Andrew Gelman

Andrew Gelman is a professor of statistics and political science and director of the Applied Statistics Center at Columbia University. He has received the Outstanding Statistical Application award from the American Statistical Association, the award for best article published in the American Political Science Review, and the Council of Presidents of Statistical Societies award for outstanding contributions by a person under the age of 40.

Recent Articles

If Paul Krugman is Right and it’s 1931, What Happens Next?

The New York Times columnist writes:

Suddenly normally calm economists are talking about 1931, the year everything fell apart. . . . And it’s happening again, both in Europe and in America. . . . None of this should be happening. As in 1931, Western nations have the resources they need to avoid catastrophe, and indeed to restore prosperity — and we have the added advantage of knowing much more than our great-grandparents did about how depressions happen and how to end them. But knowledge and resources do no good if those who possess them refuse to use them.

Do We Have a Civic Duty to Listen to Pollsters During Dinner?

About an hour ago, we received the following email from the communications director of University of California Television:

Thought you might be interested in this short video commentary featuring UC Berkeley Goldman School of Public Policy Dean Henry E. Brady on why it’s so important for average citizens to participate in political polls. The video premiered today on UCTV Prime, the YouTube original channel from University of California. Hope you’ll share the timely piece with your readers.

 

America’s Increasing Economic Inequality

Nicholas Lemann recently published a judicious review of several books on inequality in The New Yorker. Along these lines, I wanted to point out two links:

Unpacking the "Zombie" Confusion

John Sides and Larry Bartels have recently spent some space explaining the “political science” view of social class and voting in American politics, in contrast to the claims of journalists Thomas Frank, George Packer, and Jonathan Chait, that working-class whites vote Republican. Frank, Packer, and Chait are outspoken liberals, but their views of class and politics align well, at least in this point, with arguments by conservatives such as David Brooks, Michael Barone, and Charles Murray about the prominence of upper-class liberals.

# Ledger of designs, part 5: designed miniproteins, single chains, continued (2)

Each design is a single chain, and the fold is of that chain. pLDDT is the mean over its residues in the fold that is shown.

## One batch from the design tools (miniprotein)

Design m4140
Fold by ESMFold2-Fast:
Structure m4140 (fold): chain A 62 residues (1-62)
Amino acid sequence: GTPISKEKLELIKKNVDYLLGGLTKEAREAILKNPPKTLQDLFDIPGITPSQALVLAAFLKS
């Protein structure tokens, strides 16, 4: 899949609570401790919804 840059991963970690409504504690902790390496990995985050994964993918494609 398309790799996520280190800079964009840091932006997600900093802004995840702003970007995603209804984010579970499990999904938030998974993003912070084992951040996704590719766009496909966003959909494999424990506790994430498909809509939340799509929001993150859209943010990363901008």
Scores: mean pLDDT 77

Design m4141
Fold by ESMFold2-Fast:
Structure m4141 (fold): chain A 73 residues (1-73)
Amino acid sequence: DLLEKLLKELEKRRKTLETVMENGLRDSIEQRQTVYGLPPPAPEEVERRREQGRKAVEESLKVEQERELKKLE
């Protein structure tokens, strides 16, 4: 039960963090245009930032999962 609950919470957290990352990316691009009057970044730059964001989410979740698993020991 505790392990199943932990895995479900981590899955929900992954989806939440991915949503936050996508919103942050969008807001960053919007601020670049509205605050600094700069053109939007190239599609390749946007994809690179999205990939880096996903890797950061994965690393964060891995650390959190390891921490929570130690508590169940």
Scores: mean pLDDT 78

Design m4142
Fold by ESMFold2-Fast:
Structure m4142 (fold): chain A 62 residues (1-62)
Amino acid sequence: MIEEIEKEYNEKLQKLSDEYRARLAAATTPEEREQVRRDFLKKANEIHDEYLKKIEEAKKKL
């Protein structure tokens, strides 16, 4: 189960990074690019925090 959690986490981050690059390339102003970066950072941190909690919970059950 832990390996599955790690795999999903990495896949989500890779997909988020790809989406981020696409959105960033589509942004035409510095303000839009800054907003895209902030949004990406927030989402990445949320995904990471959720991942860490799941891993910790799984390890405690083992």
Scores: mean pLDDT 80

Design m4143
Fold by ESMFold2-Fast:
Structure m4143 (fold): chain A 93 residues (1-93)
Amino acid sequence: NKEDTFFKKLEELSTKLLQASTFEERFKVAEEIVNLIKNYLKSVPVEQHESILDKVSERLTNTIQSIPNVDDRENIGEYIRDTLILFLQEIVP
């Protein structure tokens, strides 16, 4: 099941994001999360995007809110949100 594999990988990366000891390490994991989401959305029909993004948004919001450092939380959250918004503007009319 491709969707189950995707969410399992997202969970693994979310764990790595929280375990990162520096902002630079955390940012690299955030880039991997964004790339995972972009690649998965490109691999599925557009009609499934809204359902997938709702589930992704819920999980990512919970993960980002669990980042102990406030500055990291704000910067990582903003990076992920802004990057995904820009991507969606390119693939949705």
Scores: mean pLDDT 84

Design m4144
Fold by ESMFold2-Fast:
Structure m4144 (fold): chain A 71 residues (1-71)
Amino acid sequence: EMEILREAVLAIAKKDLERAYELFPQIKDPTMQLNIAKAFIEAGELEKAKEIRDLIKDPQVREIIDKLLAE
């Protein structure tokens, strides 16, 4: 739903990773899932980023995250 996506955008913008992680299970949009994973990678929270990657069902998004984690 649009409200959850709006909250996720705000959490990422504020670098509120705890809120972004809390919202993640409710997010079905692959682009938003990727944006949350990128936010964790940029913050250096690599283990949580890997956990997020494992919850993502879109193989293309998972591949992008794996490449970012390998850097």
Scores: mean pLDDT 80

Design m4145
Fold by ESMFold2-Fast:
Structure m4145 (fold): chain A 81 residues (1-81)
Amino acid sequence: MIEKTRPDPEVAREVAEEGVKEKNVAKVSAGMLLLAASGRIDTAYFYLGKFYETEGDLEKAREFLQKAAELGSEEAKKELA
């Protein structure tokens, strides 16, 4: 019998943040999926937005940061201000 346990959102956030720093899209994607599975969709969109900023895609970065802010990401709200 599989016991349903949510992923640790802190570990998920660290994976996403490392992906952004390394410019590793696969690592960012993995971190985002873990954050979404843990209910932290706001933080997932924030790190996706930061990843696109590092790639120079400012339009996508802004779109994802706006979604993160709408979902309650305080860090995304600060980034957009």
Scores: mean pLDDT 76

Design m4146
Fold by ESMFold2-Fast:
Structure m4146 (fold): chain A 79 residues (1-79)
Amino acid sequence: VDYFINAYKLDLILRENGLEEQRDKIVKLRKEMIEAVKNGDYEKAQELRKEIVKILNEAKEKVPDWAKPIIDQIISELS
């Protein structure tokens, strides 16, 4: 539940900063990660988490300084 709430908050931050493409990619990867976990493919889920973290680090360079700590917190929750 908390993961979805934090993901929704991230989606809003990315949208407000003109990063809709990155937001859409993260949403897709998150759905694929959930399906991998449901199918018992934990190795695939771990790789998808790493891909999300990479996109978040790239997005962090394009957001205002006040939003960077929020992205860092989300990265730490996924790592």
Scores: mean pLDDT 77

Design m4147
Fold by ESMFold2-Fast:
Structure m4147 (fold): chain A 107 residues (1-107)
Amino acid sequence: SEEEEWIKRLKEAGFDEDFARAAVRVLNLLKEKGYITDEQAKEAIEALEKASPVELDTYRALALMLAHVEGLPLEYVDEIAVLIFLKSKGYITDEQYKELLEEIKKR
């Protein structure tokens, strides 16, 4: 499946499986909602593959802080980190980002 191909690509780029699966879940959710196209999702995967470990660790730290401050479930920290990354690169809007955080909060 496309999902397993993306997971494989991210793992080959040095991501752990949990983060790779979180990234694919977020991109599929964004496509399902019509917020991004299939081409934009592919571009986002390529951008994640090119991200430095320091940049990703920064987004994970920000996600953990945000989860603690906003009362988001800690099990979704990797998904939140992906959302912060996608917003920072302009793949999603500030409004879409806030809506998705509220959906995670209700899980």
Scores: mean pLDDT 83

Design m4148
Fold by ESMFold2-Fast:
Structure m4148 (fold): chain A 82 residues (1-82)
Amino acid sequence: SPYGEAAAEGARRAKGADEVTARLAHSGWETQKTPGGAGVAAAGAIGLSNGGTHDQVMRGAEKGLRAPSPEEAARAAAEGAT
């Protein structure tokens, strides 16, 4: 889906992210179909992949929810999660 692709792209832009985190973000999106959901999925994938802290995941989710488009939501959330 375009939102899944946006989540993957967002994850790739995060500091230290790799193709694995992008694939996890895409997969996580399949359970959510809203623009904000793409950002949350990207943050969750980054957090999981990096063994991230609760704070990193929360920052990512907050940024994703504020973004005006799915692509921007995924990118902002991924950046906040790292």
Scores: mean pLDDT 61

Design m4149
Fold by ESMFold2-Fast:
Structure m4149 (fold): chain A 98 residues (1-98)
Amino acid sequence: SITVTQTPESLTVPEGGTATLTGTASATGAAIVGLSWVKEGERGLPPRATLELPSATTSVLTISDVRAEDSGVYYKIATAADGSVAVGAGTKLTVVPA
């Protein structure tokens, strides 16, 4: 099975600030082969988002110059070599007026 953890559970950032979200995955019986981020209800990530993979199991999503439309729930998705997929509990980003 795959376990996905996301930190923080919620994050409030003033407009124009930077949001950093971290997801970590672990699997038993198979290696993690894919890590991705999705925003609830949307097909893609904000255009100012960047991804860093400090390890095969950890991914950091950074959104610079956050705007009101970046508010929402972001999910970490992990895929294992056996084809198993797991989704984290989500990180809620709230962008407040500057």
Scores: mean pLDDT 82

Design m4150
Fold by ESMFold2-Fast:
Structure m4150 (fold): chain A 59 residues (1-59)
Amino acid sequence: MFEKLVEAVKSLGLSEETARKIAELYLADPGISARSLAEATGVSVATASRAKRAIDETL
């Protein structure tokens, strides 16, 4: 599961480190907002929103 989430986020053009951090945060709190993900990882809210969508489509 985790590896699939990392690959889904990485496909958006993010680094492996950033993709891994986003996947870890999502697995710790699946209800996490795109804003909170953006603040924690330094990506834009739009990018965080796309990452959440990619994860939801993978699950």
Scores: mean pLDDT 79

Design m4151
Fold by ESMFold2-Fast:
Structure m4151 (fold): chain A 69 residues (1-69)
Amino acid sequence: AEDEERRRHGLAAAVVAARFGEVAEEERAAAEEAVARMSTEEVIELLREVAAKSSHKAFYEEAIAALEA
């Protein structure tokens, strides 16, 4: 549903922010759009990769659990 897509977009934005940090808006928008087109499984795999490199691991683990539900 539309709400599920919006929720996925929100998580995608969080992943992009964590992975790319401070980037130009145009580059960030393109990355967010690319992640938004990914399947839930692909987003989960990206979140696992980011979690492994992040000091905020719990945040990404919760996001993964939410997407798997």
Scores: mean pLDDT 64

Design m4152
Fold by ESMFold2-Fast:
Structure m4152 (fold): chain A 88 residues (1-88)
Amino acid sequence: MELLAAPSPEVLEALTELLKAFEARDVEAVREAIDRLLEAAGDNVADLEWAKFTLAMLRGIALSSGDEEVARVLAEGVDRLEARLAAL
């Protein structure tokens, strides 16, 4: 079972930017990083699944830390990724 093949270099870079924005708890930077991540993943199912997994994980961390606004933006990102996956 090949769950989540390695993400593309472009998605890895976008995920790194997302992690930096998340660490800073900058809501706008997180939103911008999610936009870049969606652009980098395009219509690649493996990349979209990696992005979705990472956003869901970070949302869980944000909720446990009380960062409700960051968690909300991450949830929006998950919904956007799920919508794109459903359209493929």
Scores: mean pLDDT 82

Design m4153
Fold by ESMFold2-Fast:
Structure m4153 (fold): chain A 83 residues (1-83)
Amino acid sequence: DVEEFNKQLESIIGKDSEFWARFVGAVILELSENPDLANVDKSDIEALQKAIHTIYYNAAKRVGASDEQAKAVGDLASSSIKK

More on political opinions of U.S. military

Following up on this and this, Paul Gronke writes:

There is a fairly active literature on attitudes of military personnel. The bulk of the literature has come out of sociology, much of it inspired by the pioneering work of Morris Janowitz (Chicago) and Charles Moskos (Northwestern, passed away in 2008). The primary academic journal in the field is Armed Forces and Society.

Political science engagement has been primarily driven be interests in the “civil military gap” that has grown as a consequence of the all-volunteer force. Peter Feaver, an old friend and colleague of mine when at Duke, has been a leader in this area, working mainly through the Triangle Institute for Security Studies, along with Dick Kohn (History at UNC, now emeritus) and Chris Gelpi (Duke, moving now to the Mershon Center at OSU). I worked with Peter, Chris, and Dick on a set of parallel surveys of civilian and military elites and the mass public, and much of this work was published in a 2001 MIT Press book Soldiers and Civilians: The Civil-Military Gap and American National Security.

Some of the ideological and partisan information that Josh asked about is contained in that book, and Dempsey’s work is a superb addition to the field, in some ways updating the TISS surveys, and in other ways challenging some of our conclusions. I think there remains some really interesting questions, not only about the partisan and ideological leanings of the military, but other questions, such as how service in the military may interact with, or even offset, some demographic influences on voting turnout and voting behavior.

From a methodological perspective, there are a number of challenges to answering Josh’s question. The military population can be devilishly hard to track. Of course, the Pentagon knows who are enlisted personnel, but is not about to allow anyone to randomly sample off of that list, and even if they did, are likely to resist including a lot of politically charged questions. If you choose to work outside of the Pentagon, you face other hurdles. A typical national survey will include a very small number of self-identified military personnel, misses anyone who lives on base (if I recall correctly, the NES sampling scheme does not include on-base housing), and anyone serving overseas. If you think you can sample from voter registration lists, think again. While in the ideal world, all military personnel will have an FPO or APO address, many who live off base may not.

One last data source that readers may be interested in is the Federal Voting Assistance Program’s biennial survey. There is not a lot of ideological and partisan information, but there is a lot of demographic information. The surveys are available at this website.

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